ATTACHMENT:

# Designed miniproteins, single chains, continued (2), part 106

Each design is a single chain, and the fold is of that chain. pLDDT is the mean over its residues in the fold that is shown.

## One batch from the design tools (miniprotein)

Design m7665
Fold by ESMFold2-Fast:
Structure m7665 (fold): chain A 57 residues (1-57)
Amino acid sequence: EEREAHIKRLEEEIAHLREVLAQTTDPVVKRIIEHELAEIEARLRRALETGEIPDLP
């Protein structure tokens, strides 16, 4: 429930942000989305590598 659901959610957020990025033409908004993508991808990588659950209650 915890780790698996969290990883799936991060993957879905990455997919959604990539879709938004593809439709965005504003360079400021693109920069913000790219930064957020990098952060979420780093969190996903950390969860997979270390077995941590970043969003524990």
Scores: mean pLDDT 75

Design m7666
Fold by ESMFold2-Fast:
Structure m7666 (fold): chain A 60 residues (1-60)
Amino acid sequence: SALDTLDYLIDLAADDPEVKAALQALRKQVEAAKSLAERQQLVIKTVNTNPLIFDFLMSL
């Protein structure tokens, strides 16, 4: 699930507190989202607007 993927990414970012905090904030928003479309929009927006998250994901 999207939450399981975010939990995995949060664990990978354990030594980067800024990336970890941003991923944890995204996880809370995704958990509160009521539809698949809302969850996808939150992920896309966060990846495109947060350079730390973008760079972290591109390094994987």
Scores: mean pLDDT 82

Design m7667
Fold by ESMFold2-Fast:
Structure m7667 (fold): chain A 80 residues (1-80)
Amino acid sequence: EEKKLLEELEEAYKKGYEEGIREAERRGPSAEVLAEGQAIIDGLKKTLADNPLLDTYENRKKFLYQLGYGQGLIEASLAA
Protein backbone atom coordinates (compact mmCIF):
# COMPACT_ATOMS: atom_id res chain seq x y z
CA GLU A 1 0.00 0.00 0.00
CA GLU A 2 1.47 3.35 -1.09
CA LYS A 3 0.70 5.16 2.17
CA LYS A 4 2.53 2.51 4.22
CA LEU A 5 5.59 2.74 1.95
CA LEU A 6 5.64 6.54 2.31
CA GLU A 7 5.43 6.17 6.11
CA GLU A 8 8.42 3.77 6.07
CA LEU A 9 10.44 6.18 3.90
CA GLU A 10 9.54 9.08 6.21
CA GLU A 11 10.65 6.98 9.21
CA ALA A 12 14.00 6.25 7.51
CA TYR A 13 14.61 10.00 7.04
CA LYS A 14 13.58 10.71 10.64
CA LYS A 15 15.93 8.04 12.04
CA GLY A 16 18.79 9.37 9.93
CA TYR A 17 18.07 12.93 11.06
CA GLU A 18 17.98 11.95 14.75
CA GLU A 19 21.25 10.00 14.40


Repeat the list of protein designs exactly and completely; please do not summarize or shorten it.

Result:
# Designed miniproteins, single chains, continued (2), part 106

Each design is a single chain, and the fold is of that chain. pLDDT is the mean over its residues in the fold that is shown.

## One batch from the design tools (miniprotein)

Design m7665
Fold by ESMFold2-Fast:
Structure m7665 (fold): chain A 57 residues (1-57)
Amino acid sequence: EEREAHIKRLEEEIAHLREVLAQTTDPVVKRIIEHELAEIEARLRRALETGEIPDLP
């Protein structure tokens, strides 16, 4: 429930942000989305590598 659901959610957020990025033409908004993508991808990588659950209650 915890780790698996969290990883799936991060993957879905990455997919959604990539879709938004593809439709965005504003360079400021693109920069913000790219930064957020990098952060979420780093969190996903950390969860997979270390077995941590970043969003524990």
Scores: mean pLDDT 75

Design m7666
Fold by ESMFold2-Fast:
Structure m7666 (fold): chain A 60 residues (1-60)
Amino acid sequence: SALDTLDYLIDLAADDPEVKAALQALRKQVEAAKSLAERQQLVIKTVNTNPLIFDFLMSL
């Protein structure tokens, strides 16, 4: 699930507190989202607007 993927990414970012905090904030928003479309929009927006998250994901 999207939450399981975010939990995995949060664990990978354990030594980067800024990336970890941003991923944890995204996880809370995704958990509160009521539809698949809302969850996808939150992920896309966060990846495109947060350079730390973008760079972290591109390094994987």
Scores: mean pLDDT 82

Design m7667
Fold by ESMFold2-Fast:
Structure m7667 (fold): chain A 80 residues (1-80)
Amino acid sequence: EEKKLLEELEEAYKKGYEEGIREAERRGPSAEVLAEGQAIIDGLKKTLADNPLLDTYENRKKFLYQLGYGQGLIEASLAA
Protein backbone atom coordinates (compact mmCIF):
# COMPACT_ATOMS: atom_id res chain seq x y z
CA GLU A 1 0.00 0.00 0.00
CA GLU A 2 1.47 3.35 -1.09
CA LYS A 3 0.70 5.16 2.17
CA LYS A 4 2.53 2.51 4.22
CA LEU A 5 5.59 2.74 1.95
CA LEU A 6 5.64 6.54 2.31
CA GLU A 7 5.43 6.17 6.11
CA GLU A 8 8.42 3.77 6.07
CA LEU A 9 10.44 6.18 3.90
CA GLU A 10 9.54 9.08 6.21
CA GLU A 11 10.65 6.98 9.21
CA ALA A 12 14.00 6.25 7.51
CA TYR A 13 14.61 10.00 7.04
CA LYS A 14 13.58 10.71 10.64
CA LYS A 15 15.93 8.04 12.04
CA GLY A 16 18.79 9.37 9.93
CA TYR A 17 18.07 12.93 11.06
CA GLU A 18 17.98 11.95 14.75
CA GLU A 19 21.25 10.00 14.40